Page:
(b) Caseload limits must not exceed thirty-six cases. The office shall not authorize payment for services for any contract service provider that fails to comply with the standard caseload limit guidelines.
(c) The office shall develop case-weighting guidelines to include a process for adjusting caseload limits, relevant policies and procedures, and recommendations for changes in court rules which may be appropriate for the implementation of the system.
(d) By December 1, 2019, the office must submit to the legislature a report detailing the final case-weighting system and guidelines, and implementation progress and recommendations. The report must be made available to the public.
(e) The administrative office of the courts shall notify the superior courts of the policies contained in the final case-weighting system.
(7) The office shall monitor and oversee the use of state funding to ensure compliance with this chapter.
(8) The office shall collect uniform and consistent basic data elements regarding service delivery. This data shall be made available to the legislature and supreme court in a format that is not identifiable by individual incapacitated person to protect confidentiality.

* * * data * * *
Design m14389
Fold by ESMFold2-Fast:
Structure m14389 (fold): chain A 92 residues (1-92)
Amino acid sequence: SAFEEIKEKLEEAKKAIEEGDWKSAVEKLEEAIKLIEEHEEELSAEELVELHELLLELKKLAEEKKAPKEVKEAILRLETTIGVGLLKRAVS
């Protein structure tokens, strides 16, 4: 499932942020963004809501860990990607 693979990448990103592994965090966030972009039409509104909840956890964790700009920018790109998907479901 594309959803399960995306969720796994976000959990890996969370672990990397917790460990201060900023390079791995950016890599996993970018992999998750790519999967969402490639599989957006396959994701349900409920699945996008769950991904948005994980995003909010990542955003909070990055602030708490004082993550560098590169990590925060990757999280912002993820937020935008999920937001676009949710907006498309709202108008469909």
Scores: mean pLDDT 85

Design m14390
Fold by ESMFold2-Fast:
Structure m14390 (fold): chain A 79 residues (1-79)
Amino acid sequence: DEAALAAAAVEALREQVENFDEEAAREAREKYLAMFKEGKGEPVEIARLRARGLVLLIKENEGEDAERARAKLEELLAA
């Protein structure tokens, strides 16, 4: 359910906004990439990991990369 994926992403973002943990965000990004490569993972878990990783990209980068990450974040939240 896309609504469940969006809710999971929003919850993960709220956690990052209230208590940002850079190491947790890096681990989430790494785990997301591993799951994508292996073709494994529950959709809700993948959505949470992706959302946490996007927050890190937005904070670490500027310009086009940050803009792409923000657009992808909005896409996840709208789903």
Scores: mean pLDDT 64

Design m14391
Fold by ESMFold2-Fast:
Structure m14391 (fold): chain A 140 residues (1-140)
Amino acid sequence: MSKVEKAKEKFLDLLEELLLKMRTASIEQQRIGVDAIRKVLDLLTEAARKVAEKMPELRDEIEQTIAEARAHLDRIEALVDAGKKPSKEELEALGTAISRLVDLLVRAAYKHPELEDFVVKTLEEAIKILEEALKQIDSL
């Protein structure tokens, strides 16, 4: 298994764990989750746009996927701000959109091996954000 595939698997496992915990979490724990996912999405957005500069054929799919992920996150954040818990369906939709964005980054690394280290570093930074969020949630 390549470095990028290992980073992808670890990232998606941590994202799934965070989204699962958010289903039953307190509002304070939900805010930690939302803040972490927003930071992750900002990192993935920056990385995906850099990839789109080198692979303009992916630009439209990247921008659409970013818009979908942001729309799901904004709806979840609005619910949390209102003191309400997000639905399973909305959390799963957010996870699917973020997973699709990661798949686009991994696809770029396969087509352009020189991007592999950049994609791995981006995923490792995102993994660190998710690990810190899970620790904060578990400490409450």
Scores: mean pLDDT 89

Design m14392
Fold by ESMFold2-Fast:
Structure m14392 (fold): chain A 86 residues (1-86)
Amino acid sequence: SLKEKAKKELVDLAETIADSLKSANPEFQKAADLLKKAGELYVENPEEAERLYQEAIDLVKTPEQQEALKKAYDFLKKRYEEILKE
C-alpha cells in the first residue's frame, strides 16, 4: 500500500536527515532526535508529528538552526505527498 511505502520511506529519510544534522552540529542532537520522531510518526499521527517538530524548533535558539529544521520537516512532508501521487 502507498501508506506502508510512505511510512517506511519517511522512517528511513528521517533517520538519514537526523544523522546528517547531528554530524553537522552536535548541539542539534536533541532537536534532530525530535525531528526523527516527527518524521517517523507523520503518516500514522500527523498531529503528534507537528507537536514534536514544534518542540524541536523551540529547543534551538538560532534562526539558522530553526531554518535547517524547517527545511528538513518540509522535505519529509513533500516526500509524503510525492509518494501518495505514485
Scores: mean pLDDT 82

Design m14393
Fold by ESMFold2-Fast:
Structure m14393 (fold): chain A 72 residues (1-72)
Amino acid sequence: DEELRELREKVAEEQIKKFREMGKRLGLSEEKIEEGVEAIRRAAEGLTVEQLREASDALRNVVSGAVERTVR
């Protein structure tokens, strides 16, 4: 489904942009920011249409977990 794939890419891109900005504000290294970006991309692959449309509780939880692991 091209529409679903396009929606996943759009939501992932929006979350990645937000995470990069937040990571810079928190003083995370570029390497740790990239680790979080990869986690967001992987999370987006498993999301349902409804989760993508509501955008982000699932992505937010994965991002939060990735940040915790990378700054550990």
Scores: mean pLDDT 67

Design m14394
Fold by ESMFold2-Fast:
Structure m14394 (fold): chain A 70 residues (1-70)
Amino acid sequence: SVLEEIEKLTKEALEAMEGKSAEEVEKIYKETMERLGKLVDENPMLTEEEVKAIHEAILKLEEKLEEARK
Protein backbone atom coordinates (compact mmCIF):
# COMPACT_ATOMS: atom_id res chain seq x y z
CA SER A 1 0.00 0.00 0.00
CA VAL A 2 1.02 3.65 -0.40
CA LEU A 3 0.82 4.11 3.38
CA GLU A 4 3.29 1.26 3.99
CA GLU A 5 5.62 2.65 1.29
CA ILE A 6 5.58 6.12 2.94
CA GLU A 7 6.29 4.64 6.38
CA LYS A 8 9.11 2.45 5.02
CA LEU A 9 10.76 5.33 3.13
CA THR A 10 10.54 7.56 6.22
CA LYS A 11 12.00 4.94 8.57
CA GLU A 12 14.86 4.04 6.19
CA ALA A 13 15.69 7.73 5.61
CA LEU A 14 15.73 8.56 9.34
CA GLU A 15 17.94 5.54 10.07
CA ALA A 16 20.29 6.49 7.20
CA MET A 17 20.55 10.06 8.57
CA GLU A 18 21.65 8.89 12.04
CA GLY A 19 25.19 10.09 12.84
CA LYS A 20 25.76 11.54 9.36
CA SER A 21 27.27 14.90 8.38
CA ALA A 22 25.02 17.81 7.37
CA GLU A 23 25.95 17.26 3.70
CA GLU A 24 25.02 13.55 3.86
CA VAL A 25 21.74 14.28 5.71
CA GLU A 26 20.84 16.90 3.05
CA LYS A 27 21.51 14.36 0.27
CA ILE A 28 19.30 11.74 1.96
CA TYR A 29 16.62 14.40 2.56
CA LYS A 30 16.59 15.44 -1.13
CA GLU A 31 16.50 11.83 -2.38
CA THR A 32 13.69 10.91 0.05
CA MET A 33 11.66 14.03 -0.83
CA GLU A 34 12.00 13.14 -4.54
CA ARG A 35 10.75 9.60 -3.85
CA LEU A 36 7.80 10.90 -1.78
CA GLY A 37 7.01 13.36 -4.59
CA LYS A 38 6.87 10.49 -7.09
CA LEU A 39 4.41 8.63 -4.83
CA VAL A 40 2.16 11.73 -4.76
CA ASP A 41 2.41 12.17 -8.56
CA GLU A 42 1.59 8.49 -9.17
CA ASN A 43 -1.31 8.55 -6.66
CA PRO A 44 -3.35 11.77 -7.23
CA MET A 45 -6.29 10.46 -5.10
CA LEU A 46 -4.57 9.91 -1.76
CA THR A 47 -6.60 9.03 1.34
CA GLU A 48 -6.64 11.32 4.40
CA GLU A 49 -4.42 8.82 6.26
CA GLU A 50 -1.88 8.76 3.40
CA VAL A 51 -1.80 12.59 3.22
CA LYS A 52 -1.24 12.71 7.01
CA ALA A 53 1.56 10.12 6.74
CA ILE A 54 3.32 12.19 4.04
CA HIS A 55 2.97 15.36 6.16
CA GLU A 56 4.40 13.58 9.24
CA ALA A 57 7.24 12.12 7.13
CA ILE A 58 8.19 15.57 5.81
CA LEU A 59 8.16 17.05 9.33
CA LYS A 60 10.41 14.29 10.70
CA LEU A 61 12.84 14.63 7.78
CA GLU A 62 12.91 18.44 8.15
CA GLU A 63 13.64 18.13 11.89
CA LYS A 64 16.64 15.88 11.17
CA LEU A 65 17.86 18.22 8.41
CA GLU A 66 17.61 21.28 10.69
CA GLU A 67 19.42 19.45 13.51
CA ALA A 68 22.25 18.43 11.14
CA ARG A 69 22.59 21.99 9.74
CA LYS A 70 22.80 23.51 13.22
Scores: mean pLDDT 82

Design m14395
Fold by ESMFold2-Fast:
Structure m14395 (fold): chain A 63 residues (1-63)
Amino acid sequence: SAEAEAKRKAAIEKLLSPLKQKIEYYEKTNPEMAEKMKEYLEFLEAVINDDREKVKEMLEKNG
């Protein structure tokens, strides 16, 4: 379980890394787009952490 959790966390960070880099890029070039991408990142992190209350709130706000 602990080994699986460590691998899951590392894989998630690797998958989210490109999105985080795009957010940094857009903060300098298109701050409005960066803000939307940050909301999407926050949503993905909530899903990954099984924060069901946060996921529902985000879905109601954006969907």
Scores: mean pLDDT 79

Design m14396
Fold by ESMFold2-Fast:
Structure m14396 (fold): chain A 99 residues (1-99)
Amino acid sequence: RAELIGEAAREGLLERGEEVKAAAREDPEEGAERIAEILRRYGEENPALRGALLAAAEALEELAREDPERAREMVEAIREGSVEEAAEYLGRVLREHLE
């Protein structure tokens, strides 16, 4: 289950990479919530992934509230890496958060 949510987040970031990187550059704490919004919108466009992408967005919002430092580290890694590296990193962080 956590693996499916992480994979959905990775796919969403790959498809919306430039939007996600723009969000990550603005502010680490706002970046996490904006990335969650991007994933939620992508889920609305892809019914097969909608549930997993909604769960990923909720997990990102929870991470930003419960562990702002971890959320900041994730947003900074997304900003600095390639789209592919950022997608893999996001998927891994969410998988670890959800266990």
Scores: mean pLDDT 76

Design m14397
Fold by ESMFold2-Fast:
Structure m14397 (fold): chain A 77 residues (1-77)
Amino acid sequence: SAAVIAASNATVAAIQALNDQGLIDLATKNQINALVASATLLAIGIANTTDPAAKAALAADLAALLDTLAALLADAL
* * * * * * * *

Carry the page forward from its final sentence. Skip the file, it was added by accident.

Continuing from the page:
(9) The office shall require contract service providers to seek reimbursement of fees from program clients who are receiving long-term care services through the department of social and health services to the extent, and only to the extent, that such reimbursement may be paid, consistent with an order of the superior court, from income that would otherwise be required by the department to be paid toward the cost of the client's care. Fees reimbursed shall be remitted by the provider to the office unless a different disposition is directed by the public guardianship administrator.
(10) Fees may be collected from the estate when the decedant's income prior to death exceeded two hundred percent of the federal poverty level, determined annually by the United States department of health and human services, based on a fee schedule established by the office that must be published annually.